You need a copy with an extended top end to allow the harmonics of the saxes to be reproduced correctly. This is the only way they will sound balanced. Otherwise you will be left with a honky upper midrange aggressiveness that will no doubt be doing its level best to tear your head off. If the pressing in question has any added grit or grain, and they almost all do, you are in for even more trouble. Only the sweetest, most tonally correct, grain-free, full-bandwidth copies will let you dig those battling bopish saxes.

Ah, and it’s so good when they do.

The Dave Brubeck Quartet – Brubeck And Rushing

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A distinguished member of the Better Records Jazz Hall of Fame.

This Minty looking Columbia Six Eye Demo LP has SUPERB SOUND and some of the quietest Six Eye vinyl I’ve ever heard. If you’re a fan of either Dave Brubeck or Jimmy Rushing you can’t do better than this album. The sound is as close to perfection as I can imagine.

Neil Young’s Guitar Masterpiece – Danger Bird

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Listen to the way Danger Bird opens. Each instrument, one by one, slowly, deliberately, one could almost say haltingly, feeds into the mix, until the churning guitars give way to Neil’s spare vocal — fatalistic, doomed, already resigned to some fate he barely understands. 

Even though the song has just begun, you sense that Neil feels a weight and a darkness bearing down on him, that it’s ongoing, that it’s already started, that somehow you’re coming into it in the middle, well after the weight of it has begun to crush and perhaps even kill him. He knows the story of Danger Bird all too well.

It’s as powerful and intense a piece of music as any I have ever experienced; sublime in its simplicity, transcendental in effect. You feel yourself swept along, an out of body experience that you can’t control. When Neil launches into the first of many guitar solos the sense of journeying or exploring with him the imaginary musical world he is creating is palpable. He doesn’t seem to know where it will lead and neither do you. There is no structure to reassure you, no end in sight, only the succession of notes that play from moment to moment, first tensing, then relaxing; cresting, then falling away.

Music has the power to take you out of the world you know and place you in a world of its own making. How it can do that nobody knows. Whatever Neil tapped into to make it happen on Danger Bird, he succeeded completely. If you’re in the right frame of mind, in the right environment, with everything working audio-wise, a minute into this song you will no longer be sitting in your comfy audio chair. You won’t know where you are, which is exactly where you should be.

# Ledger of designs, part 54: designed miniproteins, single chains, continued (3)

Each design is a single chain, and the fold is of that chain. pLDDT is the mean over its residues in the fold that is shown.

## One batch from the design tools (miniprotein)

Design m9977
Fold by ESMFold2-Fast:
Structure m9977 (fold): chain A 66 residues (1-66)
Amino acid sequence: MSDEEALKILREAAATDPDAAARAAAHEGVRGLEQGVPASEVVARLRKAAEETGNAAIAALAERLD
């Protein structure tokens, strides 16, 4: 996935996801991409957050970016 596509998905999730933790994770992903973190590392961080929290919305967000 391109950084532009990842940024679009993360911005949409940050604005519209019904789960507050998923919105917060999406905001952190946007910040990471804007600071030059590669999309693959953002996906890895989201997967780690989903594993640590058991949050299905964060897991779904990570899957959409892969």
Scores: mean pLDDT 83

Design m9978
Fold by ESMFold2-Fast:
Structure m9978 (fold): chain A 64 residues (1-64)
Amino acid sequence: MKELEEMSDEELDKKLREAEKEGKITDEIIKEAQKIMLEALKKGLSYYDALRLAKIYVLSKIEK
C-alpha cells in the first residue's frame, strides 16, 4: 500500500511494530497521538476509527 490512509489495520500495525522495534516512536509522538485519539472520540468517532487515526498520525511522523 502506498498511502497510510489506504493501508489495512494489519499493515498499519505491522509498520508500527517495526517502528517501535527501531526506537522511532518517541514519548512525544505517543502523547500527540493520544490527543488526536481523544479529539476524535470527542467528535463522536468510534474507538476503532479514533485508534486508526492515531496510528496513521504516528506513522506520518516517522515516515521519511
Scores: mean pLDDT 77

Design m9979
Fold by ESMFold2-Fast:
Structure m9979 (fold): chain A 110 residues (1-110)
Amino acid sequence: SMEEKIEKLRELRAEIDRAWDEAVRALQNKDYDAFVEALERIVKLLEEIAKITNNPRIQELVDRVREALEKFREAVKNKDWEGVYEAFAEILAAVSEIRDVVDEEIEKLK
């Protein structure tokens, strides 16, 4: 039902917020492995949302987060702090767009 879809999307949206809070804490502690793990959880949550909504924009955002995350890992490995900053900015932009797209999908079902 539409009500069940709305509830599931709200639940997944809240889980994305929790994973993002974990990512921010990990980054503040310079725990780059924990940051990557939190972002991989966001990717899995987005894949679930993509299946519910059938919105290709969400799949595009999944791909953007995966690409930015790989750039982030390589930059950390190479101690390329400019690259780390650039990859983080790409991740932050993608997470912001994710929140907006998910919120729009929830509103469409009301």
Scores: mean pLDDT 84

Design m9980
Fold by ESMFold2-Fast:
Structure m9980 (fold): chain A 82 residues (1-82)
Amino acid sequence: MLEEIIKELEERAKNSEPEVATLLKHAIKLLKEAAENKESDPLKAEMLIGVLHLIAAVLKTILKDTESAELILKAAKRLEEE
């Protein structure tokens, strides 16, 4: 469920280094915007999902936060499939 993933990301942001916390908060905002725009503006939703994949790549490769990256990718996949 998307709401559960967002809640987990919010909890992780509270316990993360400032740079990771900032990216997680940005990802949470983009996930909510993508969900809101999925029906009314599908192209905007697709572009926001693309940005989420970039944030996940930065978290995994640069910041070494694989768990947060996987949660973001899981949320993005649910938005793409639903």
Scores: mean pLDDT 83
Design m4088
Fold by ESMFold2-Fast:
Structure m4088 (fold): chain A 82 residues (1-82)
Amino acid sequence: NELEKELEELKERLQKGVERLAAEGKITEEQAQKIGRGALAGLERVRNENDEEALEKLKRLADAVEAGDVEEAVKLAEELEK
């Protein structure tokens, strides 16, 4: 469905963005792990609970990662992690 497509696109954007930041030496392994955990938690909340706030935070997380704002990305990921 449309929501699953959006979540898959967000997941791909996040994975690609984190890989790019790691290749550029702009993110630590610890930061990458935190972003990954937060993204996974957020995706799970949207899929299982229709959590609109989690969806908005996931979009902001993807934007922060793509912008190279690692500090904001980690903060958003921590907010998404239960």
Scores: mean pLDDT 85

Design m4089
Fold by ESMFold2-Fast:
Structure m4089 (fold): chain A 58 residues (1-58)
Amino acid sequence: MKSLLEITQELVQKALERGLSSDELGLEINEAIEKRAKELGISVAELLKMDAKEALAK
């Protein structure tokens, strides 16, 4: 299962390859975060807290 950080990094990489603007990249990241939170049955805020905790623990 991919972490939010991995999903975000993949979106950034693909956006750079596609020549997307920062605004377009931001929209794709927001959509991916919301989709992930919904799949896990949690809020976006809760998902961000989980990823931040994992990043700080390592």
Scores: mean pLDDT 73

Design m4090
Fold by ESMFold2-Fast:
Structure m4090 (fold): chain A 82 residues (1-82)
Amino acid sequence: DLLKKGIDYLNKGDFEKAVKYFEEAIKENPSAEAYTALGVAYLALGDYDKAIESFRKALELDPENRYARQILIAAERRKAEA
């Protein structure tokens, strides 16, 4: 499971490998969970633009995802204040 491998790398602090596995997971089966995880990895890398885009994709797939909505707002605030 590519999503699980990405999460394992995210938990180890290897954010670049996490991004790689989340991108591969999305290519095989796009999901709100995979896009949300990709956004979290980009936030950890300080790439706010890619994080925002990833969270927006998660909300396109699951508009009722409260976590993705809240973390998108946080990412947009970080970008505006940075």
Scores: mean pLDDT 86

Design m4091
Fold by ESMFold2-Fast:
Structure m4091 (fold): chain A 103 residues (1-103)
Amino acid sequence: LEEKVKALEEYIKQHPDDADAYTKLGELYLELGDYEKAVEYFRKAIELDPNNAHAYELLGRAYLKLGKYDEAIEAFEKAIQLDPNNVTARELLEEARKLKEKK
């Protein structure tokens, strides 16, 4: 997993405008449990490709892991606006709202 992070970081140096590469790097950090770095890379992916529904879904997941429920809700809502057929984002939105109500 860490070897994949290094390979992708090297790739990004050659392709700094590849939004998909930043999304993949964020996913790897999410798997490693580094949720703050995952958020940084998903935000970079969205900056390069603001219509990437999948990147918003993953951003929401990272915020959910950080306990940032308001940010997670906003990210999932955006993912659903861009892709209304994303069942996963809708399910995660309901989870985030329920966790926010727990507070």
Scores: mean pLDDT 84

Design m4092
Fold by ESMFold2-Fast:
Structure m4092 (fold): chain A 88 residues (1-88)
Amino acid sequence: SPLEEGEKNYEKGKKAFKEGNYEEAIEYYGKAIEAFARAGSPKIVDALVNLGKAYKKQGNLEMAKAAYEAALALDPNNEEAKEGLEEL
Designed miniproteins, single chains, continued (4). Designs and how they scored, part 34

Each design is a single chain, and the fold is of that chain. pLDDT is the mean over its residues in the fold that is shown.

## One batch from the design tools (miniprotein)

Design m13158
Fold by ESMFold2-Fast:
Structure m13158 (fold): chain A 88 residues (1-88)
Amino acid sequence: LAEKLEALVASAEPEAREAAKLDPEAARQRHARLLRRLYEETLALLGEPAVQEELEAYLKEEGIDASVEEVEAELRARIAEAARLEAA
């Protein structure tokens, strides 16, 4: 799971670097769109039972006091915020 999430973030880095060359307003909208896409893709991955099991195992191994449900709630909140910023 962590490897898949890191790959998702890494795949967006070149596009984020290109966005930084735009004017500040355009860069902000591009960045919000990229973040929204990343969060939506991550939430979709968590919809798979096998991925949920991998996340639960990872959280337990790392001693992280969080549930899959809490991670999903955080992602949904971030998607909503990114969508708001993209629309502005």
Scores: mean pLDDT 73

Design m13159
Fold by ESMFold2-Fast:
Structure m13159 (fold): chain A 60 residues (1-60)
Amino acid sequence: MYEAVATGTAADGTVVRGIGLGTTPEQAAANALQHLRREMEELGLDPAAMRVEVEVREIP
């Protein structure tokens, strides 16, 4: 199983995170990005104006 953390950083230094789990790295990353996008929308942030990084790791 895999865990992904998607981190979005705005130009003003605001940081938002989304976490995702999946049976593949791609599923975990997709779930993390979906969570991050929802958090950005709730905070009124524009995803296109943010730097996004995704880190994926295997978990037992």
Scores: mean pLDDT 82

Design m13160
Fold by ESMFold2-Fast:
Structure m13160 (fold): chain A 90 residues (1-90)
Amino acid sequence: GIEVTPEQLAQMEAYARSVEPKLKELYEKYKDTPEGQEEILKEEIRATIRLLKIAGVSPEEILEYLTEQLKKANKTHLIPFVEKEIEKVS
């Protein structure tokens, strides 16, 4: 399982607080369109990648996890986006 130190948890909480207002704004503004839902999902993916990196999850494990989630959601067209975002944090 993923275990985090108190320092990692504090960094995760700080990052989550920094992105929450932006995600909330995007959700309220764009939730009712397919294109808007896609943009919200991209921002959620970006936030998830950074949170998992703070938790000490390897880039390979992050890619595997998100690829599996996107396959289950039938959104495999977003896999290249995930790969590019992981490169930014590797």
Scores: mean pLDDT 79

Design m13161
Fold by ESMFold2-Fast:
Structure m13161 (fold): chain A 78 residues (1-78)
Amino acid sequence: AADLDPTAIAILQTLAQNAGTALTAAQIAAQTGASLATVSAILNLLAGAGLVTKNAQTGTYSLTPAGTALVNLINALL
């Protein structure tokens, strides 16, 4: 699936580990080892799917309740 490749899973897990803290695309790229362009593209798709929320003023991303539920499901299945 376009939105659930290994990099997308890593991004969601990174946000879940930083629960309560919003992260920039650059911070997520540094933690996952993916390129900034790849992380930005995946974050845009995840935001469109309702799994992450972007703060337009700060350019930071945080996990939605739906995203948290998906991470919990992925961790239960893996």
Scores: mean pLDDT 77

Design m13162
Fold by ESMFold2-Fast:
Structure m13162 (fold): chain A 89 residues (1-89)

The Power Of Live Music

To accomplish this feat the sound has to be right. This is always the rub. If you’re an audiophile these transcendent experiences tend to be prompted by exceptionally well-recorded music, the kind of recordings that let you forget you’re listening to a recording at all.

So many records call attention to their shortcomings so quickly that the transcendental effect never takes hold or is quickly dissipated after the first few minutes. This is not the case with the best Hot Stamper copies of the best recordings. They create a truly out-of-body experience from first note to last.

A Big Speaker Record

Let’s face it, this is a Big Speaker Record. It requires a pair of speakers that can move air with authority below 250 cycles and play at loud levels. If you don’t own speakers that can do that, this record will never really sound the way it should.

It demands to be played loud. It won’t come to life the way the producers, engineers and artists involved intended it to if you play it at moderate levels.

Ray Brown / Milt Jackson

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A distinguished member of the Better Records Jazz Hall of Fame.

This Minty Verve LP with the old style paste-on back cover sounds great! Big sounding ’60s jazz with lively arrangements from Oliver Nelson and Jimmy Heath. Clark Terry’s trumpet and flugelhorn contributions play a major role in the festivities. This is cool, swinging ’60’s jazz at its best! 

A lot of Verve records from this era are poorly mastered, but this one sounds just right to us.

A 4 1/2 Star Album in the All Music Guide!

George Benson – Breezin’ – Our Shootout Winner from 2012

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A distinguished member of the Better Records Jazz Hall of Fame.

Excellent sound for George Benson’s 1976 classic Breezin’! This copy should blow the doors off your old copy or any MoFi pressing — guaranteed. It’s got all the elements this smooth masterpiece needs to come to life today, almost 40 years later if you can believe it. There’s tons of energy, strong presence, excellent bass and a huge soundfield with real depth. You can hear right into the music, something just not possible on most copies out there.   

This album features the huge hit “This Masquerade” and lots of other strong material as well. Benson is at the top of his game, with blazing guitar lines accompanied by his scat vocals at many times. No one else ever did music like this so well again, in our humble opinion.